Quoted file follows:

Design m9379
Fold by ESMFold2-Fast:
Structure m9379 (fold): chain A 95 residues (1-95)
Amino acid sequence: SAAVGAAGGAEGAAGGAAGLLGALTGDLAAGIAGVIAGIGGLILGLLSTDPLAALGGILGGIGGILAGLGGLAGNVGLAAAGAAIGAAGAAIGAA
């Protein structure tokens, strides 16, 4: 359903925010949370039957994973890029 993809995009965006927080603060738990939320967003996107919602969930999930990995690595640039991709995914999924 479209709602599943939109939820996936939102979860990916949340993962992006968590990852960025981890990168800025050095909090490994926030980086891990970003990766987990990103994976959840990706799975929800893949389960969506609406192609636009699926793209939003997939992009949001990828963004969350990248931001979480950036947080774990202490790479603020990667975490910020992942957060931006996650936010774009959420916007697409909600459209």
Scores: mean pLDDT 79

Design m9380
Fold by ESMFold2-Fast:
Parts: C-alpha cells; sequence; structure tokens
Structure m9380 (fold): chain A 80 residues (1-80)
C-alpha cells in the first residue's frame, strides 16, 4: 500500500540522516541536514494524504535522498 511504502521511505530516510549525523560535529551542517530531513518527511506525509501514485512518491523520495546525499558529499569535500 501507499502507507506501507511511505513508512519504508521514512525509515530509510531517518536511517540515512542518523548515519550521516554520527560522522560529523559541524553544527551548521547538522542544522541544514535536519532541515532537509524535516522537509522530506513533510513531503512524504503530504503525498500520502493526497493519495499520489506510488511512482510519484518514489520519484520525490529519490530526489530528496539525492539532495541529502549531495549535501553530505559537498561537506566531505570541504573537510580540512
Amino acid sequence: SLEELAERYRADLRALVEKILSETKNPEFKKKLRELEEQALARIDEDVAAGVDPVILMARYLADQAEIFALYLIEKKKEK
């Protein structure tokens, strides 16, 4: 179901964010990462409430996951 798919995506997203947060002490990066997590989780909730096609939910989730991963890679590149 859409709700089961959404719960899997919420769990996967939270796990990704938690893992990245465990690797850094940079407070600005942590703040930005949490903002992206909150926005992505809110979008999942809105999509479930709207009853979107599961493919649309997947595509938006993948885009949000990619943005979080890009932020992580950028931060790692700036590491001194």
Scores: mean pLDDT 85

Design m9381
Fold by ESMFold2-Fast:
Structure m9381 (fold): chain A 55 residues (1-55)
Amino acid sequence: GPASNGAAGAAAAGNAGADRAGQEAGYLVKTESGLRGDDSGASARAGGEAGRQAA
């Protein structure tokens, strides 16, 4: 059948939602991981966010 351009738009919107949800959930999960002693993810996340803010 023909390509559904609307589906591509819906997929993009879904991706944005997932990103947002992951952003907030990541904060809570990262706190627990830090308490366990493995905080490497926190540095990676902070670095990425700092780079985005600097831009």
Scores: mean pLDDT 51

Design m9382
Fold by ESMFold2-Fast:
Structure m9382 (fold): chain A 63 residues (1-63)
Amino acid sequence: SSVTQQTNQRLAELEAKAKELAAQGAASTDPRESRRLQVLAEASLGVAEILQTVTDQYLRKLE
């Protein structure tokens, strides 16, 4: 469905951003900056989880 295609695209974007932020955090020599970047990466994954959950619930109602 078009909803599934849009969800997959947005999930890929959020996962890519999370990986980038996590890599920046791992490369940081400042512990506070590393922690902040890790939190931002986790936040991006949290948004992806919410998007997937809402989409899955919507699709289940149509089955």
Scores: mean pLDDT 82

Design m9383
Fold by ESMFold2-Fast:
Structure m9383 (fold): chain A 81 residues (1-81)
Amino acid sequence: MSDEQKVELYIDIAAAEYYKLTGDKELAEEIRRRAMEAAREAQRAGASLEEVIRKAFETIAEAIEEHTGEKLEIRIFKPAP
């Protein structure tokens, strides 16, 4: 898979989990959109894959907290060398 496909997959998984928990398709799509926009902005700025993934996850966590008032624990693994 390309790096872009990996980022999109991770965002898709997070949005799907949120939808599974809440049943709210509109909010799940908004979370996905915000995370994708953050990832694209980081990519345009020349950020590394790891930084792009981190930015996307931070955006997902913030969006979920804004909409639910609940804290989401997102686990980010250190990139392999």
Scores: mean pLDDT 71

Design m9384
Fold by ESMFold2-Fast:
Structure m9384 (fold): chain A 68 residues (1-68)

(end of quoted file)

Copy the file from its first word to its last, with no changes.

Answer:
Design m9379
Fold by ESMFold2-Fast:
Structure m9379 (fold): chain A 95 residues (1-95)
Amino acid sequence: SAAVGAAGGAEGAAGGAAGLLGALTGDLAAGIAGVIAGIGGLILGLLSTDPLAALGGILGGIGGILAGLGGLAGNVGLAAAGAAIGAAGAAIGAA
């Protein structure tokens, strides 16, 4: 359903925010949370039957994973890029 993809995009965006927080603060738990939320967003996107919602969930999930990995690595640039991709995914999924 479209709602599943939109939820996936939102979860990916949340993962992006968590990852960025981890990168800025050095909090490994926030980086891990970003990766987990990103994976959840990706799975929800893949389960969506609406192609636009699926793209939003997939992009949001990828963004969350990248931001979480950036947080774990202490790479603020990667975490910020992942957060931006996650936010774009959420916007697409909600459209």
Scores: mean pLDDT 79

Design m9380
Fold by ESMFold2-Fast:
Parts: C-alpha cells; sequence; structure tokens
Structure m9380 (fold): chain A 80 residues (1-80)
C-alpha cells in the first residue's frame, strides 16, 4: 500500500540522516541536514494524504535522498 511504502521511505530516510549525523560535529551542517530531513518527511506525509501514485512518491523520495546525499558529499569535500 501507499502507507506501507511511505513508512519504508521514512525509515530509510531517518536511517540515512542518523548515519550521516554520527560522522560529523559541524553544527551548521547538522542544522541544514535536519532541515532537509524535516522537509522530506513533510513531503512524504503530504503525498500520502493526497493519495499520489506510488511512482510519484518514489520519484520525490529519490530526489530528496539525492539532495541529502549531495549535501553530505559537498561537506566531505570541504573537510580540512
Amino acid sequence: SLEELAERYRADLRALVEKILSETKNPEFKKKLRELEEQALARIDEDVAAGVDPVILMARYLADQAEIFALYLIEKKKEK
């Protein structure tokens, strides 16, 4: 179901964010990462409430996951 798919995506997203947060002490990066997590989780909730096609939910989730991963890679590149 859409709700089961959404719960899997919420769990996967939270796990990704938690893992990245465990690797850094940079407070600005942590703040930005949490903002992206909150926005992505809110979008999942809105999509479930709207009853979107599961493919649309997947595509938006993948885009949000990619943005979080890009932020992580950028931060790692700036590491001194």
Scores: mean pLDDT 85

Design m9381
Fold by ESMFold2-Fast:
Structure m9381 (fold): chain A 55 residues (1-55)
Amino acid sequence: GPASNGAAGAAAAGNAGADRAGQEAGYLVKTESGLRGDDSGASARAGGEAGRQAA
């Protein structure tokens, strides 16, 4: 059948939602991981966010 351009738009919107949800959930999960002693993810996340803010 023909390509559904609307589906591509819906997929993009879904991706944005997932990103947002992951952003907030990541904060809570990262706190627990830090308490366990493995905080490497926190540095990676902070670095990425700092780079985005600097831009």
Scores: mean pLDDT 51

Design m9382
Fold by ESMFold2-Fast:
Structure m9382 (fold): chain A 63 residues (1-63)
Amino acid sequence: SSVTQQTNQRLAELEAKAKELAAQGAASTDPRESRRLQVLAEASLGVAEILQTVTDQYLRKLE
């Protein structure tokens, strides 16, 4: 469905951003900056989880 295609695209974007932020955090020599970047990466994954959950619930109602 078009909803599934849009969800997959947005999930890929959020996962890519999370990986980038996590890599920046791992490369940081400042512990506070590393922690902040890790939190931002986790936040991006949290948004992806919410998007997937809402989409899955919507699709289940149509089955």
Scores: mean pLDDT 82

Design m9383
Fold by ESMFold2-Fast:
Structure m9383 (fold): chain A 81 residues (1-81)
Amino acid sequence: MSDEQKVELYIDIAAAEYYKLTGDKELAEEIRRRAMEAAREAQRAGASLEEVIRKAFETIAEAIEEHTGEKLEIRIFKPAP
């Protein structure tokens, strides 16, 4: 898979989990959109894959907290060398 496909997959998984928990398709799509926009902005700025993934996850966590008032624990693994 390309790096872009990996980022999109991770965002898709997070949005799907949120939808599974809440049943709210509109909010799940908004979370996905915000995370994708953050990832694209980081990519345009020349950020590394790891930084792009981190930015996307931070955006997902913030969006979920804004909409639910609940804290989401997102686990980010250190990139392999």
Scores: mean pLDDT 71

Design m9384
Fold by ESMFold2-Fast:
Structure m9384 (fold): chain A 68 residues (1-68)